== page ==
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Health, education, and economic growth in East Asia

Author

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  • Hongyi Li
  • Huang Liang

Abstract

Purpose - The purpose of this paper is to examine empirically the sources of economic growth based on an augmented Mankiw, Romer, and Weil's model which considers human capital in the forms of both health and education for a group of East Asian economies including China. Design/methodology/approach - Empirical results are based on the analysis of a panel dataset from 1961 to 2007. Sub-sample estimation for the post-1997 Asian Financial Crisis period is also considered for comparison purposes. Findings - The impact of the stock of health and education on economic growth is statistically significant for both the whole sample and sub-sample period. However, the impact of investment in education on economic growth is a little “fragile”. The statistical results show that the statistical impact of health on economic growth is stronger than that of education. It seems that it is more plausible for the policymakers in East Asia to invest more in health than educational human capital. Originality/value - This paper is one of the first empirical studies to analyze the effect of human capital in the form of both health and education on economic growth in East Asia.

Suggested Citation

  • Hongyi Li & Huang Liang, 2010. "Health, education, and economic growth in East Asia," Journal of Chinese Economic and Foreign Trade Studies, Emerald Group Publishing, vol. 3(2), pages 110-131, June.
  • Handle: RePEc:eme:ceftpp:v:3:y:2010:i:2:p:110-131
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    References listed on IDEAS

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    Citations

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    Cited by:

    1. Hüseyin Sen & Ayse Kaya & Baris Alpaslan, 2015. "Education, Health, and Economic Growth Nexus: A Bootstrap Panel Granger Causality Analysis for Developing Countries," The School of Economics Discussion Paper Series 1502, Economics, The University of Manchester.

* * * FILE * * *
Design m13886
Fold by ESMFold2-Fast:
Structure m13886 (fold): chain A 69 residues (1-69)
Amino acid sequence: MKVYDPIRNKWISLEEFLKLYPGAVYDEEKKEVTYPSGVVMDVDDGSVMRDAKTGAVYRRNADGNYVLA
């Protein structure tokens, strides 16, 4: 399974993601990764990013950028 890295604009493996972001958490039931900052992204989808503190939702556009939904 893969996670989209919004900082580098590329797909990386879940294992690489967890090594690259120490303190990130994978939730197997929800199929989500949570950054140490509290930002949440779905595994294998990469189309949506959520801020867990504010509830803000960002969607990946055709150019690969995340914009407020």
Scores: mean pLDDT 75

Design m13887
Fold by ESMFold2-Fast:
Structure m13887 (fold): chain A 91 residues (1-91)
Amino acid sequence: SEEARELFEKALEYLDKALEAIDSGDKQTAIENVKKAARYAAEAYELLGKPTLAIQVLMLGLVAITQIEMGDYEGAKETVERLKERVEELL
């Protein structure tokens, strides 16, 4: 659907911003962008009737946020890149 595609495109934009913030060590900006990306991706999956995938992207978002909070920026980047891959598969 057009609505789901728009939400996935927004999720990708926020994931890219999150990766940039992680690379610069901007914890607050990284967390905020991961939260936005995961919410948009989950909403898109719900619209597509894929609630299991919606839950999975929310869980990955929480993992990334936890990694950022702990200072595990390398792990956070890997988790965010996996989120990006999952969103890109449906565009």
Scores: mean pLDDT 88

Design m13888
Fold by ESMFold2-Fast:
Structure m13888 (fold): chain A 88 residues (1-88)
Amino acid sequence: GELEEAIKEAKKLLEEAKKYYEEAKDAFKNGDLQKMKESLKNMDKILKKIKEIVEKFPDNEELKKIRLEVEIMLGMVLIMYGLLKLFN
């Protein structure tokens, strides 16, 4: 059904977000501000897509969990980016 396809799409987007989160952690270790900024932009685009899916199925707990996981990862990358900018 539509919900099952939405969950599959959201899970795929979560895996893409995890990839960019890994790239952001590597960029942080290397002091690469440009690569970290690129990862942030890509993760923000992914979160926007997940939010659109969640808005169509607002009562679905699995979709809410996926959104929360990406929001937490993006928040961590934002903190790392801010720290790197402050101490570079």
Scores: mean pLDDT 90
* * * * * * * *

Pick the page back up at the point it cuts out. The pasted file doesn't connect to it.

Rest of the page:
2. Menashy, Francine & Dryden-Peterson, Sarah, 2015. "The Global Partnership for Education’s evolving support to fragile and conflict-affected states," International Journal of Educational Development, Elsevier, vol. 44(C), pages 82-94.
    3. Bruns, Stephan B. & Gross, Christian, 2013. "What if energy time series are not independent? Implications for energy-GDP causality analysis," Energy Economics, Elsevier, vol. 40(C), pages 753-759.
    4. Stephan B. Bruns, Christian Gross and David I. Stern, 2014. "Is There Really Granger Causality Between Energy Use and Output?," The Energy Journal, International Association for Energy Economics, vol. 0(Number 4).
    5. repec:kap:enreec:v:69:y:2018:i:1:d:10.1007_s10640-016-0071-x is not listed on IDEAS
    6. Biswajit Maitra & C.K. Mukhopadhyay, 2012. "Public spending on education, health care and economic growth in selected countries of Asia and the Pacific," Asia-Pacific Development Journal, United Nations Economic and Social Commission for Asia and the Pacific (ESCAP), vol. 19(2), pages 19-48, December.
    7. Chakravarty, Sugato & Pylypiv, Mariya I., 2015. "The Role of Subsidization and Organizational Status on Microfinance Borrower Repayment Rates," World Development, Elsevier, vol. 66(C), pages 737-748.
    8. Eyup Dogan, 2016. "The Relationship between Economic Growth, Energy Consumption and Trade," Bulletin of Energy Economics (BEE), The Economics and Social Development Organization (TESDO), vol. 4(1), pages 70-80, March.
    9. Barnes, Andrew J. & Unruh, Lynn & Chukmaitov, Askar & van Ginneken, Ewout, 2014. "Accountable care organizations in the USA: Types, developments and challenges," Health Policy, Elsevier, vol. 118(1), pages 1-7.

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